Jeanne Bryan Insalaco writes: I was just there in October and the store, Johnson’s Pharmacy, next to the one on the corner is now boarded up; in April the roof was gone but you could still look inside. The corner store was originally The Bank Of Siloam, the vault is still inside. My cousins, Lawson and Ulma O’Neil McKinley owned it as a grocery/general store last. My grandparents lived in this town of Siloam, so I grew up around there and visit yearly – I also love to take photographs of areas before they are lost.
Lanelle LaRue writes: When I was going to school, this was known as the Dolvin’s general store and where the farmers would sit around a pot belly stove and shoot the breeze and where the high school students would wait for the bus to come by and take us to Greensboro High school. The old post office was a little further down the street towards White Plains. My Aunt owned the post office at that time. Later this building became the post office.
This structure utilizes the same porthole vent found on the general store across the street. It was likely designed by the same builder.
Thanks to Travis Conley & Carroll Underwood for the identification.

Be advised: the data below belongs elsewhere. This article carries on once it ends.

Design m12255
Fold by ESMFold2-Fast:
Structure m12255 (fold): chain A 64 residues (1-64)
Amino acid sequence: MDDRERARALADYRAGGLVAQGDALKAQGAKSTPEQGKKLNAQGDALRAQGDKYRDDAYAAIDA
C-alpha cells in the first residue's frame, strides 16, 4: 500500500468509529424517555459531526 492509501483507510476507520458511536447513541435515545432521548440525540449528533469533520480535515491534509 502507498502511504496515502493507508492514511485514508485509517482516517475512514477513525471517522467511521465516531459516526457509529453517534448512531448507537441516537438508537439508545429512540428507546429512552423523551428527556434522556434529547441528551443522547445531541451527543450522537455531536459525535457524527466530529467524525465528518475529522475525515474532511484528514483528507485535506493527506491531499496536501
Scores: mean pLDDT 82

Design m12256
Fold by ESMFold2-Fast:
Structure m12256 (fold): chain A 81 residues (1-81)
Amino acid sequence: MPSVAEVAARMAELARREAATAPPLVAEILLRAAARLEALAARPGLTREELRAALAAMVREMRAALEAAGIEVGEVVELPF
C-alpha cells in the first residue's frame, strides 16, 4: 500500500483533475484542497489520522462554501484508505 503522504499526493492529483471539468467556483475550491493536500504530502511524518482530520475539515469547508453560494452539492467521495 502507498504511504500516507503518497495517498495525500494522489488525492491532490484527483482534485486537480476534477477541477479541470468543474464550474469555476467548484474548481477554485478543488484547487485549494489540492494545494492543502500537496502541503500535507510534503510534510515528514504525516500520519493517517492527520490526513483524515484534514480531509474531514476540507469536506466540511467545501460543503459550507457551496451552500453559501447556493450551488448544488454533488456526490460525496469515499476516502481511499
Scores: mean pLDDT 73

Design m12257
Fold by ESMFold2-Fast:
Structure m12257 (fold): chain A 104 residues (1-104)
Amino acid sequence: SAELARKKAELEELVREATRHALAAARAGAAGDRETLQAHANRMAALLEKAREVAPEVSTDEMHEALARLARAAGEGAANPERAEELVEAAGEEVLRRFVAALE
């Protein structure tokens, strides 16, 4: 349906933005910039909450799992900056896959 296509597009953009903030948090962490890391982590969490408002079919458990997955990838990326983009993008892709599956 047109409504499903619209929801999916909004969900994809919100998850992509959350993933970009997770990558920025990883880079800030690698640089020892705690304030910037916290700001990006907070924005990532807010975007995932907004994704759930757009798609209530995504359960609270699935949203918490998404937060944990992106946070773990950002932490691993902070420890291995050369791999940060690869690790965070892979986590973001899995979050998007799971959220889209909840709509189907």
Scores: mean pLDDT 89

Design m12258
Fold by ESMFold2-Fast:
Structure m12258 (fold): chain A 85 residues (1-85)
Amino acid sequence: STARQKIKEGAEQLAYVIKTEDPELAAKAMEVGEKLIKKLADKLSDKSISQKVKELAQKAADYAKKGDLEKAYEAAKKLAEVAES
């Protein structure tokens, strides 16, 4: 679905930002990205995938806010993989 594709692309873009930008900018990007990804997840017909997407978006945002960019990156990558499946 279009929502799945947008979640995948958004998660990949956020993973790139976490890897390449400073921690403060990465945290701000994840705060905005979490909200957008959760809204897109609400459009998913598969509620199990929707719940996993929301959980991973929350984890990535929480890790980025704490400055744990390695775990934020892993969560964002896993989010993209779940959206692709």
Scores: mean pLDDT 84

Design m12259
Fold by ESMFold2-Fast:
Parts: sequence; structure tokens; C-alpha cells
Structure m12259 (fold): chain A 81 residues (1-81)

John Dolvin first organized Hastings Church in 1894, then dissolved it at the end of the century to form the Siloam Presbyterian Church. It’s known as Dolvin Memorial Chapel in his memory. In 1929 it was saved from fire by a Mrs. Rhodes, who lost her life as a result of burns she sustained during the conflagration.
Located adjacent to Siloam Presbyterian and across the street from Siloam Baptist, this cemetery was established on land owned by Siloam (then Smyrna) Baptist for use by the community. Granite fence posts around some of the plots are a neat feature throughout the cemetery.
Constituted in 1828, Siloam Baptist Church was organized as Smyrna Baptist. Smyrna was the original name of the church and village but when the post office department began eliminating duplicate geographical names in the late 19th century, it was changed to Siloam. Like other Greene County congregations, this church had African-American members until after the Civil War. This is the fourth house of worship built by the congregation.